In 1993 Estonian state adopted a law on citizenship and residency, based on Jus sanguinis. Under the new law, former Soviet citizens who had neither held Estonian citizenship nor were descended from citizens (including approximately 500,000 ethnic Russians) were to be regarded foreigners.[12] Some raised concerns that the new foreigners would face possible expulsion from Estonian territory; however, these concerns were not based in fact and in general, Soviet-era non-citizen immigrants were furnished with long-term residence permits.

Ostensibly in response to the government's actions, Juri Mišin [13] and a few other former activists of the Intermovement made demands of regional autonomy for Estonia's Russian minority, seeking autonomy of the ethnic Russian dominated areas in North-East Estonia.[14]

Activists held an unconstitutional plebiscite on this matter in the Narva region.[15] Some raised concerns that the central government might use force to prevent the plebiscite, but these concerns were not based in fact, and it tookplace on July 16–July 17, 1993. According to the activist commissions in Narva and Sillamäe, 53.2% percent of voters participated and 98% in total (97.2% in Narva). However, the central government determined the majority of the population did not participate, and demanded the Narva city council, which had provided material support to separatists, to disband.[16][17]

The Intermovement was not built on ethnic principles and had some ethnic Estonian supporters. However, of the 742 delegates attending the first congress on March 5, 1989, only 11 were ethnic Estonian.[18] It was supported by Gustav Naan and Vladimir Hütt; Intermovements ranks also included Arnold Sai, Lembit Annus and Valter Toots.[19] Similar organisations existed in Latvia, Lithuania (called 'Yedinstvo' - 'Unity') and Moldavia. They shared orthodox communist views and struggled for preserving the Soviet Union. Being committed to the USSR's territorial integrity, they forged alliances with Russian nationalist organizations.[20] Pyotr Rozhok, a participant of the Intermovement, became a LDPRF politician in 1990s [21][22] before running as Stalinist Bloc candidate in Russian legislative election, 1999.[23][24]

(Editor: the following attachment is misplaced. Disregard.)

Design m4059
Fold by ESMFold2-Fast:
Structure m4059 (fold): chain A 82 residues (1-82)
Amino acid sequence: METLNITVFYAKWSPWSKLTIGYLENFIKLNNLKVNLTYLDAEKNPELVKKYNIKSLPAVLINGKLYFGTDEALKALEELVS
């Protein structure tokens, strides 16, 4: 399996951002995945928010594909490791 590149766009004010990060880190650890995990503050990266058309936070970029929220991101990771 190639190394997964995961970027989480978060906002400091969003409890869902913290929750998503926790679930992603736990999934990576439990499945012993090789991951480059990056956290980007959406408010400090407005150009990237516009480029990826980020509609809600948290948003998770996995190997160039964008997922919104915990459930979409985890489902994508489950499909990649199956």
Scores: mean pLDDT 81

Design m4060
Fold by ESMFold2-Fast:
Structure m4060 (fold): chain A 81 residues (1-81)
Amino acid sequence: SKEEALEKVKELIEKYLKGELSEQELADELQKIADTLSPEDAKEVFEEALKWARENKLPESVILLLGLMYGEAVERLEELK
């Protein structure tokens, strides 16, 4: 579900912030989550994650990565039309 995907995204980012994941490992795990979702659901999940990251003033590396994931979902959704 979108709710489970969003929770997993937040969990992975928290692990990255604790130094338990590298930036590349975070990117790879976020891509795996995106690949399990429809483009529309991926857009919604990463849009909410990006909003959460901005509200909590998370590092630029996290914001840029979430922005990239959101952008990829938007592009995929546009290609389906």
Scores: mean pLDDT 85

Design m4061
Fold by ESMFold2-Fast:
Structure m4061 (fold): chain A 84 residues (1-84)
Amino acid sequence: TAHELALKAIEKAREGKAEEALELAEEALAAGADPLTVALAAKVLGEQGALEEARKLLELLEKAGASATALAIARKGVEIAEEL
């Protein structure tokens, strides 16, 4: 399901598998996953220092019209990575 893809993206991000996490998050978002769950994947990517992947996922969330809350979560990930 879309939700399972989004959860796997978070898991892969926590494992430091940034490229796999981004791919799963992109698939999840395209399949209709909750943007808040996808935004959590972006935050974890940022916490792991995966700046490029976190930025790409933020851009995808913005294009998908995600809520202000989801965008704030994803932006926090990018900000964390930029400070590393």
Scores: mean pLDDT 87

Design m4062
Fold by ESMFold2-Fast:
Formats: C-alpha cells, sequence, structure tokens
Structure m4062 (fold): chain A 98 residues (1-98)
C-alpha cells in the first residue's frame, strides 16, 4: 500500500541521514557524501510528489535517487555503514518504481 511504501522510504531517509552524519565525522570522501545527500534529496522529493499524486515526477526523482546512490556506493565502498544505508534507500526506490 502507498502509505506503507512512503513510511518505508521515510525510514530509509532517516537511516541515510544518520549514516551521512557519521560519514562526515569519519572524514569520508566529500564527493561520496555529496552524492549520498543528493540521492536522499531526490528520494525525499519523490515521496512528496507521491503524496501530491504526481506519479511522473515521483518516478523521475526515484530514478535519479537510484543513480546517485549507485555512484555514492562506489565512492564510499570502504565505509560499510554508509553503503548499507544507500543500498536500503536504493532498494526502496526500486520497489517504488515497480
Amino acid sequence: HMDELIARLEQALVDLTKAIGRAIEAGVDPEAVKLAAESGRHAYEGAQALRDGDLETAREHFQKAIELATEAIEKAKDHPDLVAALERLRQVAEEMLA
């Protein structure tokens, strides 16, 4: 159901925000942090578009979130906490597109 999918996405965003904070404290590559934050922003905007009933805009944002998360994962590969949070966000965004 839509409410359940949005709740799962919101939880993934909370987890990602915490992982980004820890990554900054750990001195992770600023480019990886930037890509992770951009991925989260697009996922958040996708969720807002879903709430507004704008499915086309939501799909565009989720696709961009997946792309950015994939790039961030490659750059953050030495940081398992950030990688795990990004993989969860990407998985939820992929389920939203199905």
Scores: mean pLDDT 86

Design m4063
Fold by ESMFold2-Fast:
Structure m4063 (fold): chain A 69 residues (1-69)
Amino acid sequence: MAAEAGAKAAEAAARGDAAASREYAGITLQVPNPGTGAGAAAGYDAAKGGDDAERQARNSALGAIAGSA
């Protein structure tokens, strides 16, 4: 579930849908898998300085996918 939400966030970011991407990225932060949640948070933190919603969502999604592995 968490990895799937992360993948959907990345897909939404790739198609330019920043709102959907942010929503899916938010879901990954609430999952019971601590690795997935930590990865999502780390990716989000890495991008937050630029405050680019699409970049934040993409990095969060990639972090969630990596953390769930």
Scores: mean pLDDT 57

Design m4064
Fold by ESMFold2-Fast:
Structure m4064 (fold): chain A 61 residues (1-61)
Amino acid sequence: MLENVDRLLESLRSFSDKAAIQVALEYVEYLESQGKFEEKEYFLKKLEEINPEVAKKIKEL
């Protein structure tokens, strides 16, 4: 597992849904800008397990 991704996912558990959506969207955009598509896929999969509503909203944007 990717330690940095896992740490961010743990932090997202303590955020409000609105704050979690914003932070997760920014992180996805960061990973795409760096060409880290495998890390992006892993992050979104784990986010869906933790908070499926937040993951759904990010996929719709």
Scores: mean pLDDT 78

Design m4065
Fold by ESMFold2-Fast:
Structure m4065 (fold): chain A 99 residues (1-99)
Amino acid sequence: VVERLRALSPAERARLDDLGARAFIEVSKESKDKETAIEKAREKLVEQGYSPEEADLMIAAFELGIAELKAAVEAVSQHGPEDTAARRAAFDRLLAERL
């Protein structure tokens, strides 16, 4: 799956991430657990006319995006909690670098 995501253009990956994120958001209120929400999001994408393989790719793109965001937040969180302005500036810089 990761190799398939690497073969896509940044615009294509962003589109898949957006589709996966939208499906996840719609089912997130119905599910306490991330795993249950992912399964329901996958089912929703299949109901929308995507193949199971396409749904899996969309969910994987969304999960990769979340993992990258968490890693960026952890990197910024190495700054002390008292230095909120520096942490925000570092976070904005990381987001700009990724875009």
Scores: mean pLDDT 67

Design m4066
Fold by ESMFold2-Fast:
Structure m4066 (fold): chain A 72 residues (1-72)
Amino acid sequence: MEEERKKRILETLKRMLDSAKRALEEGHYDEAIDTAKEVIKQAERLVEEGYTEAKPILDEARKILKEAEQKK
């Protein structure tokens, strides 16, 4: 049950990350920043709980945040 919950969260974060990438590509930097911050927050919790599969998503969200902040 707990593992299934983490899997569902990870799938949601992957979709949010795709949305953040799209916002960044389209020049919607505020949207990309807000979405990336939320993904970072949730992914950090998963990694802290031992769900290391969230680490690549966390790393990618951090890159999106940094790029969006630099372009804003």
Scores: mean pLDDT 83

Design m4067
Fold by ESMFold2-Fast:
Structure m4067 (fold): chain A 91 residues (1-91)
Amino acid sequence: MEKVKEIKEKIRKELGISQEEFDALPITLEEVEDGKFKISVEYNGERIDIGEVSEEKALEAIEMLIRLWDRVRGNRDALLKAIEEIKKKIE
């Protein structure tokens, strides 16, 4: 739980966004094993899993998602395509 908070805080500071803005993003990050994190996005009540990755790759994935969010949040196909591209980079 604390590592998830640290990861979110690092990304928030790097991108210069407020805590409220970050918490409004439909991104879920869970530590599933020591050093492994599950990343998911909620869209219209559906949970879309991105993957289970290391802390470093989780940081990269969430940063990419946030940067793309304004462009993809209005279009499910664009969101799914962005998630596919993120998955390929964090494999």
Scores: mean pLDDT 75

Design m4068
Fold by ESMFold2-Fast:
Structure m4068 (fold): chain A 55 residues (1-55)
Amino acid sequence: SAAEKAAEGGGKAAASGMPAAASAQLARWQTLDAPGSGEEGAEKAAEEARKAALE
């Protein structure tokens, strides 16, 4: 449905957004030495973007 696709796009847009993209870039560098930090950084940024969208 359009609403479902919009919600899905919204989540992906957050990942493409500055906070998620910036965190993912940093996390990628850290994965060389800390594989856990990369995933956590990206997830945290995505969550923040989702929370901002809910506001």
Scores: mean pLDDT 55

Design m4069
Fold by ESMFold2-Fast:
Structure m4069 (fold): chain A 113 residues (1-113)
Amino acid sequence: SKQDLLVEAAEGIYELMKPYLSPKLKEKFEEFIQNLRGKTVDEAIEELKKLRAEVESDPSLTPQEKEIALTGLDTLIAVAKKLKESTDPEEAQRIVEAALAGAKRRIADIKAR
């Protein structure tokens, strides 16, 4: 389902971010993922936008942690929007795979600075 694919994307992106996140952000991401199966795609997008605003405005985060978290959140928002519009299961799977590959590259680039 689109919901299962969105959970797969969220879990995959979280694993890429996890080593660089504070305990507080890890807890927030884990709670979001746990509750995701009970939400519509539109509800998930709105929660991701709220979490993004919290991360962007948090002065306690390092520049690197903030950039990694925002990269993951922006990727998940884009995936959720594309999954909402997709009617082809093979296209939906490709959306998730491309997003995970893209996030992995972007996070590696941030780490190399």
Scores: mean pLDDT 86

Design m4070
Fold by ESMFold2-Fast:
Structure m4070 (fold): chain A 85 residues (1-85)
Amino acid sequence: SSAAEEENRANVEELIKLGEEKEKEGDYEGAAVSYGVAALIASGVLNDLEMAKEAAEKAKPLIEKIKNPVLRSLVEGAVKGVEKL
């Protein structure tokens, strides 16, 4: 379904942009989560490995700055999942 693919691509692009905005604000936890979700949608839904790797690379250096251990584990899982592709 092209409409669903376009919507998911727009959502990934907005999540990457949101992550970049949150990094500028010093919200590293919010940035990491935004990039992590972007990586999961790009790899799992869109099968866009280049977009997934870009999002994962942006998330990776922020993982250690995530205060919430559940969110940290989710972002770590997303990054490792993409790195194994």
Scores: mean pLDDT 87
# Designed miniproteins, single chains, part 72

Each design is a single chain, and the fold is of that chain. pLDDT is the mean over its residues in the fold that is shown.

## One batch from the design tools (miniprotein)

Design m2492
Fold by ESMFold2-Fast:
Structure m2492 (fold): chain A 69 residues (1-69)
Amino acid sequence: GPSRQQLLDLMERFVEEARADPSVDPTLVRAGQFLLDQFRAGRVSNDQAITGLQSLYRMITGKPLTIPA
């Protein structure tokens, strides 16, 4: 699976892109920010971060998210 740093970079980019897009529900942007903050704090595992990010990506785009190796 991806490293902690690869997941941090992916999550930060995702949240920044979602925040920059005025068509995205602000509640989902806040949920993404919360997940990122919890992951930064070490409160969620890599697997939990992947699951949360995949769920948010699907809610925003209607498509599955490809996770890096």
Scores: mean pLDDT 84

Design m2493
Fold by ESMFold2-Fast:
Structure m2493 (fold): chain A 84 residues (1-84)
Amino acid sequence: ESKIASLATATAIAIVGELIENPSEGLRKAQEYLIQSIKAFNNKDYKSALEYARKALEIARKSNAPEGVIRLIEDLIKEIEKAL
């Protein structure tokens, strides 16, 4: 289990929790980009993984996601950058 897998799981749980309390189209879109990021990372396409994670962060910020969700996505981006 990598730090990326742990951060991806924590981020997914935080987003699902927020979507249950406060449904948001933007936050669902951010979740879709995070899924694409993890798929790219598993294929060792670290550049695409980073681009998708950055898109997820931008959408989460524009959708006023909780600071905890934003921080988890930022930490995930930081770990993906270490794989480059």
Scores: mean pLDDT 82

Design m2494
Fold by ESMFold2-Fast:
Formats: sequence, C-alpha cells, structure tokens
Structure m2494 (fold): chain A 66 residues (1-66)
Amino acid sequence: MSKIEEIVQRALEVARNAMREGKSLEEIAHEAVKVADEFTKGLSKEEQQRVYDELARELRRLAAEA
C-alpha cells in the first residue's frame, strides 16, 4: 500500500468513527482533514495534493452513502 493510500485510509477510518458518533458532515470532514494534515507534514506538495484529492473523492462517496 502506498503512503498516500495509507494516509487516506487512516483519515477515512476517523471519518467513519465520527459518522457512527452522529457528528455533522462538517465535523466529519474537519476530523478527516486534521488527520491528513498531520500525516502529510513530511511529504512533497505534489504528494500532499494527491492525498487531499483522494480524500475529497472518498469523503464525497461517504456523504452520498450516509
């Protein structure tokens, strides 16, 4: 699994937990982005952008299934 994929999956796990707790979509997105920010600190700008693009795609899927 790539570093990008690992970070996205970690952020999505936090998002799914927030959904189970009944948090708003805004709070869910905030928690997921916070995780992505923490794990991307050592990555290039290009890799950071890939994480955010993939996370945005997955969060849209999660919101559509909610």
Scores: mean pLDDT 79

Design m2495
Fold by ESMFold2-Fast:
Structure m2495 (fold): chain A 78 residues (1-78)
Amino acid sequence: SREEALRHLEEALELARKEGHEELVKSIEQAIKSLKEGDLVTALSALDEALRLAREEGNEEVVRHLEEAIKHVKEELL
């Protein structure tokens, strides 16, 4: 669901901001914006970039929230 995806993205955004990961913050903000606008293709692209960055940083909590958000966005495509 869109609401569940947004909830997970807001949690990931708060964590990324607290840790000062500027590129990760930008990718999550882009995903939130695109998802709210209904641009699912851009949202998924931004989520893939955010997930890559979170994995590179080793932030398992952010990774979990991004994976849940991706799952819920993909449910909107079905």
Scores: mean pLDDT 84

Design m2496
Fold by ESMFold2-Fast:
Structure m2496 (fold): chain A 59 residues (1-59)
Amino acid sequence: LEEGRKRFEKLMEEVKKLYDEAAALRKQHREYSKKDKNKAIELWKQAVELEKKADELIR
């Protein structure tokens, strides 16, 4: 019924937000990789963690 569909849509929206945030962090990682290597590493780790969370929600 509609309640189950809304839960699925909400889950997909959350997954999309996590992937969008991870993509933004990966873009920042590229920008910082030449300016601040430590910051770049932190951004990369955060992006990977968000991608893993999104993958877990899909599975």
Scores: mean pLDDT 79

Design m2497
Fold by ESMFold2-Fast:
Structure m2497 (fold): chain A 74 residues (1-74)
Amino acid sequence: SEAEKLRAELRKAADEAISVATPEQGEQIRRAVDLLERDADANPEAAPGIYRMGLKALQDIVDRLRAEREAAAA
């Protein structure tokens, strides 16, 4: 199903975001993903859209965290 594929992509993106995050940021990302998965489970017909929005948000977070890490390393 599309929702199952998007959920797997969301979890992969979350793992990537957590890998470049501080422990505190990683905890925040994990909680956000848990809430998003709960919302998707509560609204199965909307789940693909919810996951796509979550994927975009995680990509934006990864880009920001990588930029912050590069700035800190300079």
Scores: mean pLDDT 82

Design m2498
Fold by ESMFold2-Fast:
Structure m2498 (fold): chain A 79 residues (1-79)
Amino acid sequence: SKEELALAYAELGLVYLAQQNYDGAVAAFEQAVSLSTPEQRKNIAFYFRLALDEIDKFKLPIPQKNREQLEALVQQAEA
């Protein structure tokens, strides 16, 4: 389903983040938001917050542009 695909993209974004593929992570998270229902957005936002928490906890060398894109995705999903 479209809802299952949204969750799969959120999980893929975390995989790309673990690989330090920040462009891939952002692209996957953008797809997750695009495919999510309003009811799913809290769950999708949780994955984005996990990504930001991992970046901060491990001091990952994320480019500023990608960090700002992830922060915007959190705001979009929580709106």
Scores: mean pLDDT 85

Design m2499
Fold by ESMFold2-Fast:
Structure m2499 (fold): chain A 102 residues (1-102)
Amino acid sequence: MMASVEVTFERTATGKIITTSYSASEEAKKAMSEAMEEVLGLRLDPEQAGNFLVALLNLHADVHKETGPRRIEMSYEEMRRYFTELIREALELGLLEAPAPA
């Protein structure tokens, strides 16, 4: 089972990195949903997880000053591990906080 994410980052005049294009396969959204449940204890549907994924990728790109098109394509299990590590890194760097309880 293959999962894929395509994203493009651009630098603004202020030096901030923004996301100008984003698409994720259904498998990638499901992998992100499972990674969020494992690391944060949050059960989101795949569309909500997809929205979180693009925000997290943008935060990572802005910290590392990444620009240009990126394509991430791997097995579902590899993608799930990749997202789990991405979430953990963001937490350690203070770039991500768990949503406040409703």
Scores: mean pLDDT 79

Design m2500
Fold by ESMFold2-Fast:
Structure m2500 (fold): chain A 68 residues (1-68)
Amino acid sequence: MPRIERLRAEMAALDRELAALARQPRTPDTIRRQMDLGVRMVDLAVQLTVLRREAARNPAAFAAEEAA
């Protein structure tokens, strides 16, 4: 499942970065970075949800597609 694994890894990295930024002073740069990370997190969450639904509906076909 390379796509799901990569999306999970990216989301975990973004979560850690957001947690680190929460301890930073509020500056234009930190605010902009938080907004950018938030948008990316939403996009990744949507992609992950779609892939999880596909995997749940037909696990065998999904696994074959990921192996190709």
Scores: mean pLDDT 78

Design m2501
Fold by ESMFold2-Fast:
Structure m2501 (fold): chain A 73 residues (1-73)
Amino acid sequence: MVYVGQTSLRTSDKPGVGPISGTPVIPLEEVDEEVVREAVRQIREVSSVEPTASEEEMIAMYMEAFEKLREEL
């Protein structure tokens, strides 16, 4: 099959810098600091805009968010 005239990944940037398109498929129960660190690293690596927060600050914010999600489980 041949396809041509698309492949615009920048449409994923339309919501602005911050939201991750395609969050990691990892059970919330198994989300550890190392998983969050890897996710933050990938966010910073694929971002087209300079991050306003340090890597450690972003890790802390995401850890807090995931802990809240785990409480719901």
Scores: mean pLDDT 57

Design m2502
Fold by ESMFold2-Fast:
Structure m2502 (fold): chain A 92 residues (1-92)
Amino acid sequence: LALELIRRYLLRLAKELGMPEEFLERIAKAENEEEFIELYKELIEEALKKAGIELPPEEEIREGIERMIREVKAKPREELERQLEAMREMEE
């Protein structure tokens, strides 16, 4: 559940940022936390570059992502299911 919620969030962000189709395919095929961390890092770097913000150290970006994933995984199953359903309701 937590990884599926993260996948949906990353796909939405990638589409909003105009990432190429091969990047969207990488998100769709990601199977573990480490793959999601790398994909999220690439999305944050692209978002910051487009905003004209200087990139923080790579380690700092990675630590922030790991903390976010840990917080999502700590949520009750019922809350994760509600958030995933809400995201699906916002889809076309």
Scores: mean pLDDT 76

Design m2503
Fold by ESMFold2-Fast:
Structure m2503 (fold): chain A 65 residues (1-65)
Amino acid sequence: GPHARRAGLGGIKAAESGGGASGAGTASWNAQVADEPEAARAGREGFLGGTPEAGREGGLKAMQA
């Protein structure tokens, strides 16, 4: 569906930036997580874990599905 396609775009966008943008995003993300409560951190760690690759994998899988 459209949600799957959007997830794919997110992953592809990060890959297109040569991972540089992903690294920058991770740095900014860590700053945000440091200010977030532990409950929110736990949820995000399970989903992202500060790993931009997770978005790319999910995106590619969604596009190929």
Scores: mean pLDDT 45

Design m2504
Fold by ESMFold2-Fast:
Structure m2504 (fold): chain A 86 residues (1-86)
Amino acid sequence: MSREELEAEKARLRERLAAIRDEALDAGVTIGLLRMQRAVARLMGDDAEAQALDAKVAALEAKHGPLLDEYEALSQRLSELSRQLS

See also[edit]

References[edit]

  1. ^ a b c An Annotated Survey of Independent Movements in Eastern Europe, 13 June 1989
  2. ^ Soviet Union Look Who's Feeling Picked On - Time magazine - September 25, 1989
  3. ^ Employee Ownership and the Political Debate in Estonia 1987-1994.
  4. ^ a b THE ANATOMY OF INDEPENDENCE, Kripta, Tartu, Sankt Petersburg 2004, ISBN 5-98451-007-3
  5. ^ a b here
  6. ^ Suri endine Interrinde liider Jevgeni Kogan, Postimees 29 March 2007
  7. ^ Estonia - Time magazine - November 28, 1988
  8. ^ Estonia: Nation Building And Integration. Political And Legal Aspects - (Google cache); originally Smith, Graham 1996. ‘The Ethnic Democracy Thesis and the Citizenship Question in Estonia and Latvia’. Nationalities Papers, 24, 2, pp. 199-216.
  9. ^ Iseseisvuse anatoomia. Анатомия независимости. The anatomy of independence, Kripta, Tartu, Sankt Petersburg 2004, ISBN 5-98451-007-3. p. 173(Russian)
  10. ^ ELECTIONS AND REFERENDUMS IN ESTONIA 1989-1999 - Elections to the Congress of the USSR People's Deputies 26.03.1989
  11. ^ Eesti Ekspress August 15, 2006: Raadiohääl Keila tankipolgust (Estonian)
  12. ^ [1]
  13. ^ Russian: Юрий Мишин, also transliterated as Yury Mishin)
  14. ^ Aliens in a Land They Call Home - Time magazine - July 19, 1993
  15. ^ Kansalaisuuskiistojen ei uskota vievän sijoittajia Virosta - Kauppalehti July 9, 1993 (Finnish)
  16. ^ [2]
  17. ^ [3]
  18. ^ Toivo Miljan, Historical Dictionary of Estonia, Scarecrow Press, 2004, ISBN 0-8108-4904-6
  19. ^ The Anatomy of Independence
  20. ^ http://books.google.com/books?id=a-dbI7B6Vs0C&pg=PA224&dq=intermovement+estonia
  21. ^ http://rusdrev.narod.ru/R/rojkov.htm
  22. ^ http://www.igpi.ru/monitoring/1047645476/jan1994/Estoniya0194.htm
  23. ^ http://www.moles.ee/99/Sep/07/2-3.html
  24. ^ http://www.panorama.ru/works/vybory/party/stalin2.html

External links[edit]